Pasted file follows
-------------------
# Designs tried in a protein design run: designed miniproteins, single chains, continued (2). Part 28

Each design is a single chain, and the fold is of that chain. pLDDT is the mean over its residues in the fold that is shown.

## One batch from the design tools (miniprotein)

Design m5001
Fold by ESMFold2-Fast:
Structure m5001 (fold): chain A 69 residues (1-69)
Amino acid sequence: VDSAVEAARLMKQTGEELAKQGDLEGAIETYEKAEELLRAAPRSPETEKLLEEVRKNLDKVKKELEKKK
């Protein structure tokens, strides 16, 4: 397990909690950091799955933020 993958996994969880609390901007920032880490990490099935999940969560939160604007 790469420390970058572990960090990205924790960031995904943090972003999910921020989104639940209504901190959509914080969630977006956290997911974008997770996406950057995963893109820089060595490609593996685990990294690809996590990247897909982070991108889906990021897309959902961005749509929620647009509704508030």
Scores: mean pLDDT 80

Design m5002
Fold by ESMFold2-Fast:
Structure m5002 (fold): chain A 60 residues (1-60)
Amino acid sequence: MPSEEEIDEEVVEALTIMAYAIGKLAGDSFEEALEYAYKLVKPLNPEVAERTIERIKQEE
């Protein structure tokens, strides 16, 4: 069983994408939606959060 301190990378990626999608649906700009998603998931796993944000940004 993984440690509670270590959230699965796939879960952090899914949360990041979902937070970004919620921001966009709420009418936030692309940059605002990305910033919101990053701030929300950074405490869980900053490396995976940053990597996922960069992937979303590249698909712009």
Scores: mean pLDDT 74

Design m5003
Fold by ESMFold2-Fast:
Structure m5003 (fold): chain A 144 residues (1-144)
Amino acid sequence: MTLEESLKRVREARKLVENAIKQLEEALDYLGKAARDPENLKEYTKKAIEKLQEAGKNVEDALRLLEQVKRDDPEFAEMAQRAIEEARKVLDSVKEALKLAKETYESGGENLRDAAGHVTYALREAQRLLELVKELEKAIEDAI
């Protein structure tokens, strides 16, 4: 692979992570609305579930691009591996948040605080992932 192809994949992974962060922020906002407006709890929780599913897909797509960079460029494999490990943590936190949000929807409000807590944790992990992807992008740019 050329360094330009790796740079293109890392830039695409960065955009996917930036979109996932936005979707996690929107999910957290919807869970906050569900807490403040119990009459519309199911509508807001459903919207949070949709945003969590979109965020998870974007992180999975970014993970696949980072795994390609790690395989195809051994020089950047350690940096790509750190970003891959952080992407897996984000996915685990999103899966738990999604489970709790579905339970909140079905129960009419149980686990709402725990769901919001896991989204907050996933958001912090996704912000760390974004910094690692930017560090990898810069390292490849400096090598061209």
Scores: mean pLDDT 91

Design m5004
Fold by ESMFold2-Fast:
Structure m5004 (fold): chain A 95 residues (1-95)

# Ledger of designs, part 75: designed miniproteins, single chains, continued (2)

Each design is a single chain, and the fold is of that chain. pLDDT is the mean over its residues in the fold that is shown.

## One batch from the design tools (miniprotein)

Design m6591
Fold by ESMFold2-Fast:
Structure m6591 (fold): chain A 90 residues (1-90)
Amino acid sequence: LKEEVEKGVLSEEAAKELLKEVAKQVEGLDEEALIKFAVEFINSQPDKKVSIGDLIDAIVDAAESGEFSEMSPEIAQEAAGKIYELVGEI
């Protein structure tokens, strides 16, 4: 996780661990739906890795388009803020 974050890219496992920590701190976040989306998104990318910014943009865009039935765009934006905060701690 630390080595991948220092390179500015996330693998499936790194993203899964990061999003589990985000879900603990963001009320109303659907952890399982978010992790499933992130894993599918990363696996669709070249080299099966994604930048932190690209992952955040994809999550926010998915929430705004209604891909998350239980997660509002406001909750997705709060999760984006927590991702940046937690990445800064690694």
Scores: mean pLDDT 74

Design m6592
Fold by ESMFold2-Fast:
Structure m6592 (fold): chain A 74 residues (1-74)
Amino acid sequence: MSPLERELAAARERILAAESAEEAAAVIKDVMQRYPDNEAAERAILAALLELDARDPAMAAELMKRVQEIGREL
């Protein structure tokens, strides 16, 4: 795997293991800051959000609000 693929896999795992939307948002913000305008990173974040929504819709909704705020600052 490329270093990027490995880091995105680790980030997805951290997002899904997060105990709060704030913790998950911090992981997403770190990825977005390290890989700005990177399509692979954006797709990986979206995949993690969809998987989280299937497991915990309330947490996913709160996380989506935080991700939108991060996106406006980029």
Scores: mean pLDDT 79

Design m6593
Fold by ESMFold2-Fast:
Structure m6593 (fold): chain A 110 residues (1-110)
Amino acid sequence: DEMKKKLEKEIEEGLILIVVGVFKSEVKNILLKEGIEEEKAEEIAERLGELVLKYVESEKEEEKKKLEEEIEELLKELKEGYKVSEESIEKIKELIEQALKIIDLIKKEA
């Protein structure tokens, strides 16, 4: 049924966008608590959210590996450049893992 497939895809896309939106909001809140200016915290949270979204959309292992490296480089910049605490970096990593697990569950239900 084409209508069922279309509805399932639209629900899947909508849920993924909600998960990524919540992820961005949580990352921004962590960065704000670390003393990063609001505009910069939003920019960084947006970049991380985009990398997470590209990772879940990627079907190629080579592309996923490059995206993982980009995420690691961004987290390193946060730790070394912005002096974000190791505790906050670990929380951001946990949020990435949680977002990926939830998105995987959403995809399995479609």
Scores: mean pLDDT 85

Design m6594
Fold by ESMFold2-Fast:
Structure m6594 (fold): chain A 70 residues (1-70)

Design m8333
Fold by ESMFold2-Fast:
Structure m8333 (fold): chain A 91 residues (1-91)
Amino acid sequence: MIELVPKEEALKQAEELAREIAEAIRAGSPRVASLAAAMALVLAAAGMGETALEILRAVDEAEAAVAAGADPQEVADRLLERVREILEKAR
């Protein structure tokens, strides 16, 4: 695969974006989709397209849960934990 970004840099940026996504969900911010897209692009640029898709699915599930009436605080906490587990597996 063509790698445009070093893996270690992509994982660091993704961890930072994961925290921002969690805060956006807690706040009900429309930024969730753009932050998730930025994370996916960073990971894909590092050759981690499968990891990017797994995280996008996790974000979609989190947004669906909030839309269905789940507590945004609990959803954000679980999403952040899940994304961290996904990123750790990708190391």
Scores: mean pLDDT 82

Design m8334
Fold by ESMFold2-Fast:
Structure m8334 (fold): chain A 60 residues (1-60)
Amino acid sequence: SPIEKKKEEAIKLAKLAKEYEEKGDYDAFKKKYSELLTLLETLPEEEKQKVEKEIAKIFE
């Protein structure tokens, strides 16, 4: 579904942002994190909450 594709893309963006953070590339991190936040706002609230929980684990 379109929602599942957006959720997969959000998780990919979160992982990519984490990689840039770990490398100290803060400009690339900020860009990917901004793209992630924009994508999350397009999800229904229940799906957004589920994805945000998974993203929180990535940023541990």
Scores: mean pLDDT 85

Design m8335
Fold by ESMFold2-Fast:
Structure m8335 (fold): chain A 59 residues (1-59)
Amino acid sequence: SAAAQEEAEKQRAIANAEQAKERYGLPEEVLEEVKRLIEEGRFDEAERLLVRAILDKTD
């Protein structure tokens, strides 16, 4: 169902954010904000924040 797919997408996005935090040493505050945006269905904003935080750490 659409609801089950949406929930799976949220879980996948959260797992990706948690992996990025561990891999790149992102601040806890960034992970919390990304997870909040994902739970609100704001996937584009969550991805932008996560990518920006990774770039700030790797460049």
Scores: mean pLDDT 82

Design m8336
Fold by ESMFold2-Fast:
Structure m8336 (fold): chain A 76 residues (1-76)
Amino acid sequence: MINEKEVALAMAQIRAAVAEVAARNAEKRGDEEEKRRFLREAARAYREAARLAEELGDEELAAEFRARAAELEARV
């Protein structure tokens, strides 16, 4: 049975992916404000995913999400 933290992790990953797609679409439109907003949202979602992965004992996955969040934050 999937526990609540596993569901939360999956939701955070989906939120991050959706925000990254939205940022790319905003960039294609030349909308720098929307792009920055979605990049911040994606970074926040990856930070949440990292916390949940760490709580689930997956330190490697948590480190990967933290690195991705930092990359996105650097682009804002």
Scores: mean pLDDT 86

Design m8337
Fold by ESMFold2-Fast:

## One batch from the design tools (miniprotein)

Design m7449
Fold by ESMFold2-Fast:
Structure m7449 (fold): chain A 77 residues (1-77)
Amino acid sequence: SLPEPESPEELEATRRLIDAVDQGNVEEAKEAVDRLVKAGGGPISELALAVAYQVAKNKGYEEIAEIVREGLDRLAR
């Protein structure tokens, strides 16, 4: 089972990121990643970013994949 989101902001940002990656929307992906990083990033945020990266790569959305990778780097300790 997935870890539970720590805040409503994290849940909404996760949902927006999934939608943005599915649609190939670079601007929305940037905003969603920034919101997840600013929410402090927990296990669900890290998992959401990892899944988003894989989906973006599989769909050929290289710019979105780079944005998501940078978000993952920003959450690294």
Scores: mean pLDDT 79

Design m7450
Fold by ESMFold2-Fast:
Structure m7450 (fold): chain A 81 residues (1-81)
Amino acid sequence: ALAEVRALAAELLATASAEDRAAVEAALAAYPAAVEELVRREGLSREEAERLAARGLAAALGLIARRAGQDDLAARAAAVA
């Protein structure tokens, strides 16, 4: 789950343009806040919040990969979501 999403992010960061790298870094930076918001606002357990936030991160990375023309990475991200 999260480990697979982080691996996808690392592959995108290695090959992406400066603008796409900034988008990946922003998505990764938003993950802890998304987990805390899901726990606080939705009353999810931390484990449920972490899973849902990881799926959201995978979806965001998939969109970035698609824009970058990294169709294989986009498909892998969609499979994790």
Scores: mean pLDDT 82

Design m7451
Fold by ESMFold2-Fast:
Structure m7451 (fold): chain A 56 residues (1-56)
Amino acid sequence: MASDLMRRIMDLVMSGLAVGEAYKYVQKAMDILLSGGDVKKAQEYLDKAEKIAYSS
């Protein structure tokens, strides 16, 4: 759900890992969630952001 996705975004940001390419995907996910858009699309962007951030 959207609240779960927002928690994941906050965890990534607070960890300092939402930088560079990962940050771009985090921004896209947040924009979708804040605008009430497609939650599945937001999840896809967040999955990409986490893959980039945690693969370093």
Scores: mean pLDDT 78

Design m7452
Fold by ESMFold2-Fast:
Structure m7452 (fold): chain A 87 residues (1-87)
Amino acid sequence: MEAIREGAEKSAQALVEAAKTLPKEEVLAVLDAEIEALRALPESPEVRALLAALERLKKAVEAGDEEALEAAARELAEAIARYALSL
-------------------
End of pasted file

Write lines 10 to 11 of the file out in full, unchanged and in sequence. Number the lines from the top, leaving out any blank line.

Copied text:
Design m5002
Fold by ESMFold2-Fast: